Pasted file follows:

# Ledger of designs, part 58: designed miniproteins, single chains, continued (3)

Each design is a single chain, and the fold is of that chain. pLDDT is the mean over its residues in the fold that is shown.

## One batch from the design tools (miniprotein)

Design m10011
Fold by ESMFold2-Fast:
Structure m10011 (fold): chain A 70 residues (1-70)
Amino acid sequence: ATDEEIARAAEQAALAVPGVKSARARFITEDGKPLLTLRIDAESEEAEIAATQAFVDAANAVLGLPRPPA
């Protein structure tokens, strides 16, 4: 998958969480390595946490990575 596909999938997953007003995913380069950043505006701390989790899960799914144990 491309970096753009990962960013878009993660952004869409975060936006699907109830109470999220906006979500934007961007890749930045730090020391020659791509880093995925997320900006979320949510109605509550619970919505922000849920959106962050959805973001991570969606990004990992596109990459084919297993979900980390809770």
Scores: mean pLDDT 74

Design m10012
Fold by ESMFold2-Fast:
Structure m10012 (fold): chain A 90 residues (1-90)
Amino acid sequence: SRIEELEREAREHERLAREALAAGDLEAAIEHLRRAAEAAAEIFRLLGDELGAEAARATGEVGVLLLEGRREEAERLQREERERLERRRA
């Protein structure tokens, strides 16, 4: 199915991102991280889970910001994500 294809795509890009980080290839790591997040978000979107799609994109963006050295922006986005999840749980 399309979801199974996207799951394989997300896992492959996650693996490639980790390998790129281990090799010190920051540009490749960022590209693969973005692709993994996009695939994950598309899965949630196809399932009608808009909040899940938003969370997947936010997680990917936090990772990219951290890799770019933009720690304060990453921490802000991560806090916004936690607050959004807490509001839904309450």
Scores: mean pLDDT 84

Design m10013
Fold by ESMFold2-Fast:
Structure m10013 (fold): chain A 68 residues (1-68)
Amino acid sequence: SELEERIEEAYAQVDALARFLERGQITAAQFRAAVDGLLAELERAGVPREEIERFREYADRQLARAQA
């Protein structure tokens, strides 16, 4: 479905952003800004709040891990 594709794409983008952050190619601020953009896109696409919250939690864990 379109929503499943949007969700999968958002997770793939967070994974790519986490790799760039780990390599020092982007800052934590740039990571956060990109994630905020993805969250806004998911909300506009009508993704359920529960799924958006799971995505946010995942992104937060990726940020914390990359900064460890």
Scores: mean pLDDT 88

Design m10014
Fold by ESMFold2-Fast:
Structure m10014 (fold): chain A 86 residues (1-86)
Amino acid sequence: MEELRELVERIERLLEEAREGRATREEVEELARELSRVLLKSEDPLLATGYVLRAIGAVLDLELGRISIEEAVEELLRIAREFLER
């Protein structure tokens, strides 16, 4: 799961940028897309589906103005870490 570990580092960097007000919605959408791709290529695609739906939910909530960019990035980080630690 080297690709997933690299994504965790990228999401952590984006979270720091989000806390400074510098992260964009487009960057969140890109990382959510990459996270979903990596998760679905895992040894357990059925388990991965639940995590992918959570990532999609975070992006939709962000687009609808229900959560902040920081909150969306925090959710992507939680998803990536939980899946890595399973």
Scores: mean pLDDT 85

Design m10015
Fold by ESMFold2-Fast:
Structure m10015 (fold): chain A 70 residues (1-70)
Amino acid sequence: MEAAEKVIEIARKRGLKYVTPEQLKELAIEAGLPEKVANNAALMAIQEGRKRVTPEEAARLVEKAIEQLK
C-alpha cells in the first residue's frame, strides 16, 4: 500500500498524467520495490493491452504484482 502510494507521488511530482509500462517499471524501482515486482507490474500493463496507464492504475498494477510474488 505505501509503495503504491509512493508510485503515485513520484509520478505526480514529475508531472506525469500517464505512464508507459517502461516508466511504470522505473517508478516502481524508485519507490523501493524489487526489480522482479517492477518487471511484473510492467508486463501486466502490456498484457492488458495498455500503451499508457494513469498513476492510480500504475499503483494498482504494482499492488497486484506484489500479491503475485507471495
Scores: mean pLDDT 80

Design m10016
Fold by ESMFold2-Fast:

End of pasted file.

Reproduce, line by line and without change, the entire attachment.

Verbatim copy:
# Ledger of designs, part 58: designed miniproteins, single chains, continued (3)

Each design is a single chain, and the fold is of that chain. pLDDT is the mean over its residues in the fold that is shown.

## One batch from the design tools (miniprotein)

Design m10011
Fold by ESMFold2-Fast:
Structure m10011 (fold): chain A 70 residues (1-70)
Amino acid sequence: ATDEEIARAAEQAALAVPGVKSARARFITEDGKPLLTLRIDAESEEAEIAATQAFVDAANAVLGLPRPPA
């Protein structure tokens, strides 16, 4: 998958969480390595946490990575 596909999938997953007003995913380069950043505006701390989790899960799914144990 491309970096753009990962960013878009993660952004869409975060936006699907109830109470999220906006979500934007961007890749930045730090020391020659791509880093995925997320900006979320949510109605509550619970919505922000849920959106962050959805973001991570969606990004990992596109990459084919297993979900980390809770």
Scores: mean pLDDT 74

Design m10012
Fold by ESMFold2-Fast:
Structure m10012 (fold): chain A 90 residues (1-90)
Amino acid sequence: SRIEELEREAREHERLAREALAAGDLEAAIEHLRRAAEAAAEIFRLLGDELGAEAARATGEVGVLLLEGRREEAERLQREERERLERRRA
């Protein structure tokens, strides 16, 4: 199915991102991280889970910001994500 294809795509890009980080290839790591997040978000979107799609994109963006050295922006986005999840749980 399309979801199974996207799951394989997300896992492959996650693996490639980790390998790129281990090799010190920051540009490749960022590209693969973005692709993994996009695939994950598309899965949630196809399932009608808009909040899940938003969370997947936010997680990917936090990772990219951290890799770019933009720690304060990453921490802000991560806090916004936690607050959004807490509001839904309450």
Scores: mean pLDDT 84

Design m10013
Fold by ESMFold2-Fast:
Structure m10013 (fold): chain A 68 residues (1-68)
Amino acid sequence: SELEERIEEAYAQVDALARFLERGQITAAQFRAAVDGLLAELERAGVPREEIERFREYADRQLARAQA
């Protein structure tokens, strides 16, 4: 479905952003800004709040891990 594709794409983008952050190619601020953009896109696409919250939690864990 379109929503499943949007969700999968958002997770793939967070994974790519986490790799760039780990390599020092982007800052934590740039990571956060990109994630905020993805969250806004998911909300506009009508993704359920529960799924958006799971995505946010995942992104937060990726940020914390990359900064460890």
Scores: mean pLDDT 88

Design m10014
Fold by ESMFold2-Fast:
Structure m10014 (fold): chain A 86 residues (1-86)
Amino acid sequence: MEELRELVERIERLLEEAREGRATREEVEELARELSRVLLKSEDPLLATGYVLRAIGAVLDLELGRISIEEAVEELLRIAREFLER
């Protein structure tokens, strides 16, 4: 799961940028897309589906103005870490 570990580092960097007000919605959408791709290529695609739906939910909530960019990035980080630690 080297690709997933690299994504965790990228999401952590984006979270720091989000806390400074510098992260964009487009960057969140890109990382959510990459996270979903990596998760679905895992040894357990059925388990991965639940995590992918959570990532999609975070992006939709962000687009609808229900959560902040920081909150969306925090959710992507939680998803990536939980899946890595399973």
Scores: mean pLDDT 85

Design m10015
Fold by ESMFold2-Fast:
Structure m10015 (fold): chain A 70 residues (1-70)
Amino acid sequence: MEAAEKVIEIARKRGLKYVTPEQLKELAIEAGLPEKVANNAALMAIQEGRKRVTPEEAARLVEKAIEQLK
C-alpha cells in the first residue's frame, strides 16, 4: 500500500498524467520495490493491452504484482 502510494507521488511530482509500462517499471524501482515486482507490474500493463496507464492504475498494477510474488 505505501509503495503504491509512493508510485503515485513520484509520478505526480514529475508531472506525469500517464505512464508507459517502461516508466511504470522505473517508478516502481524508485519507490523501493524489487526489480522482479517492477518487471511484473510492467508486463501486466502490456498484457492488458495498455500503451499508457494513469498513476492510480500504475499503483494498482504494482499492488497486484506484489500479491503475485507471495
Scores: mean pLDDT 80

Design m10016
Fold by ESMFold2-Fast: